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Burmese monk Ashin Gambira again detained, released


(Mizzima) – The Burmese activist monk Ashin Gambira was detained by Rangoon authorities again on Tuesday, according to his brother.

Activist monk Ashin Gambira  Photo: MizzimaHis older brother, Aung Kyaw Kyaw, told Voice of America’s Burmese service on Thursday that Ashin Gambira told him he was released late Wednesday after being questioned overnight by authorities.

He said the monk was questioned about a recent visit to Kachin State in northern Burma and whether he had been in contact with members of the Kachin Independence Army. His brother's purpose in visiting the north was to call attention to the plight of ethnic refugees, he said.

Ashin Gambira was picked up by members of Burma's military intelligence department late Tuesday at his sister's home in a Rangoon township. His brother said Ashin Gambira was scheduled to meet with the British ambassador on Wednesday.

Gambira, who was sentenced to 68 years in prison for leading pro-democracy protests in 2007,  played a leading role in the All Burma Monks Alliance. He was released in an amnestty in January.

The monk had returned to Rangoon on Tuesday from a trip to Kachin State and a visit to his family’s home in Meithila near Mandalay, a friend told the democracyforburma.com website. Ashin Gambira was staying at the home of his elder sister in Eastern Dagong Township in Rangoon when a car with four policemen arrived and took him away on Tuesday, the friend said.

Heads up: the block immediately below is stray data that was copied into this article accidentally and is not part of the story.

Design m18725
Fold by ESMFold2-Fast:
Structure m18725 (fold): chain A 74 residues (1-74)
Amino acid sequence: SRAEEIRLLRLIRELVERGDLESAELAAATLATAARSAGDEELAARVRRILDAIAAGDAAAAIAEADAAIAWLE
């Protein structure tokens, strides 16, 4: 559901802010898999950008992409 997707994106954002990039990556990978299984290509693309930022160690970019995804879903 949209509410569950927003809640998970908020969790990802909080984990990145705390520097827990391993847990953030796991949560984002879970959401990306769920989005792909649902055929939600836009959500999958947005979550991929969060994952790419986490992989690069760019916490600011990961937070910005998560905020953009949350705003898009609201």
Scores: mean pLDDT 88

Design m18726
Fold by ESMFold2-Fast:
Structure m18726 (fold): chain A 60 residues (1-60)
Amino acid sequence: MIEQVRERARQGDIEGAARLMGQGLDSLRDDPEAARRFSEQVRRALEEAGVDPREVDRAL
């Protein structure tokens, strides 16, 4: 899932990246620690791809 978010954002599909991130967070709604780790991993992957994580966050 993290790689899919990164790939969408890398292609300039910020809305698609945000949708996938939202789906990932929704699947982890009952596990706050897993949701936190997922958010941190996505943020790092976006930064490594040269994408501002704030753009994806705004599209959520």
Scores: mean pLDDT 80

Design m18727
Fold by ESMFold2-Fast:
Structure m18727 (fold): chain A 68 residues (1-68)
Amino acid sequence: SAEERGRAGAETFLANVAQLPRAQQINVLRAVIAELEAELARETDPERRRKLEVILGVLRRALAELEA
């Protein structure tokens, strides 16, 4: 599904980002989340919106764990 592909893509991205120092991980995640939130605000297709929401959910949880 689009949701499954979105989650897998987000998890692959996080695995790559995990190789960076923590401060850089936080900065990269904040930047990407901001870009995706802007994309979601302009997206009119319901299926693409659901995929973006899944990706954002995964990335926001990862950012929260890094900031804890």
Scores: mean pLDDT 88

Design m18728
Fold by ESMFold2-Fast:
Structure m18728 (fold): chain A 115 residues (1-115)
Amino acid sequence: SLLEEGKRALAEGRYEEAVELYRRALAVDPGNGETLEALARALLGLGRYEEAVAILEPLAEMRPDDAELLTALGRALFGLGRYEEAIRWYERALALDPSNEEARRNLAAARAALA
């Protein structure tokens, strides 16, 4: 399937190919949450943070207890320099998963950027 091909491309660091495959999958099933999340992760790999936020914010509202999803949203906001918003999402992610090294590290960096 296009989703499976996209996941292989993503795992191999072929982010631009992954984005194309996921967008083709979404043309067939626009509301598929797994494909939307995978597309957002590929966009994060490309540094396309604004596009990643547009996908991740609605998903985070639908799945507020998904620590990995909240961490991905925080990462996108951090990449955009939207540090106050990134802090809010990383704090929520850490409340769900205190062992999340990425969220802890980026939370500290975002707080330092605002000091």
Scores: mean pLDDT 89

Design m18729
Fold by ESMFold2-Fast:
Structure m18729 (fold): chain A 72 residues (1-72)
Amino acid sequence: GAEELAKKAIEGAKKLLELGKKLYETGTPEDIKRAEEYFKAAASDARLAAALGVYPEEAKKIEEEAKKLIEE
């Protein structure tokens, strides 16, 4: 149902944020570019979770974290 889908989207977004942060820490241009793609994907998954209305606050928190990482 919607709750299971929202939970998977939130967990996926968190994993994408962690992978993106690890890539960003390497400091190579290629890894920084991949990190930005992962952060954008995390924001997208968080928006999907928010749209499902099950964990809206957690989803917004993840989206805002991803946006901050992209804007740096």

On February 9, Ashin Gambira was detained for several hours by security police for allegedly breaking into monasteries that had been closed and locked up after the 2007 mass demonstrations.

Observes note that the current government seems to be especially sensitive to two areas of Burmese society: the sangha and the media. Ashin Gambira said after his release from prison that he was skeptical of the democratic reforms made by the newly elected government.

A biographical sketch on Wikipedia says: “U Gambira first became well known in August 2007, when high fuel and commodity prices in Yangon, Burma sparked a series of city-wide protests. The city's Buddhist monks took on a leadership role in these demonstrations, forming the All-Burma Monks' Alliance and lending the uprising its nickname of “the Saffron Revolution”, after the color of the monks' robes. U Gambira, a 29-year-old monk, became one of the new organization's leaders.”

“Following the protests, he went into hiding. His brother Aung Kyaw Kyaw was arrested on what the Assistance Association for Political Prisoners believes to be an attempt by the government to force U Gambira out of hiding. On 4 November, he published editorials in the Washington Post and The Guardian calling for the international community to continue sanctions against Burma's leadership, for Russia and China to cease supporting the military government on the United Nations Security Council, and for Burma's people to continue to peacefully protest against the military rulers.”

“The regime's use of mass arrests, murder, torture and imprisonment has failed to extinguish our desire for the freedom that was stolen from us so many years ago. We have taken their best punch”, he wrote in the Post.

“The same day, he was arrested in Sagaing Region; his father was arrested as well and held for one month in Mandalay prison. Human Rights Watch reported that U Gambira was stripped of his robes and "badly tortured" following his arrest.”
Last Updated ( Thursday, 08 March 2012 17:10 )  
The Kachin’s last stand
Since October this year, Burma has been in a state of civil war, with fighting between Burmese military and armed ethnic rebels. The ruling junta started a crackdown on these armed groups.

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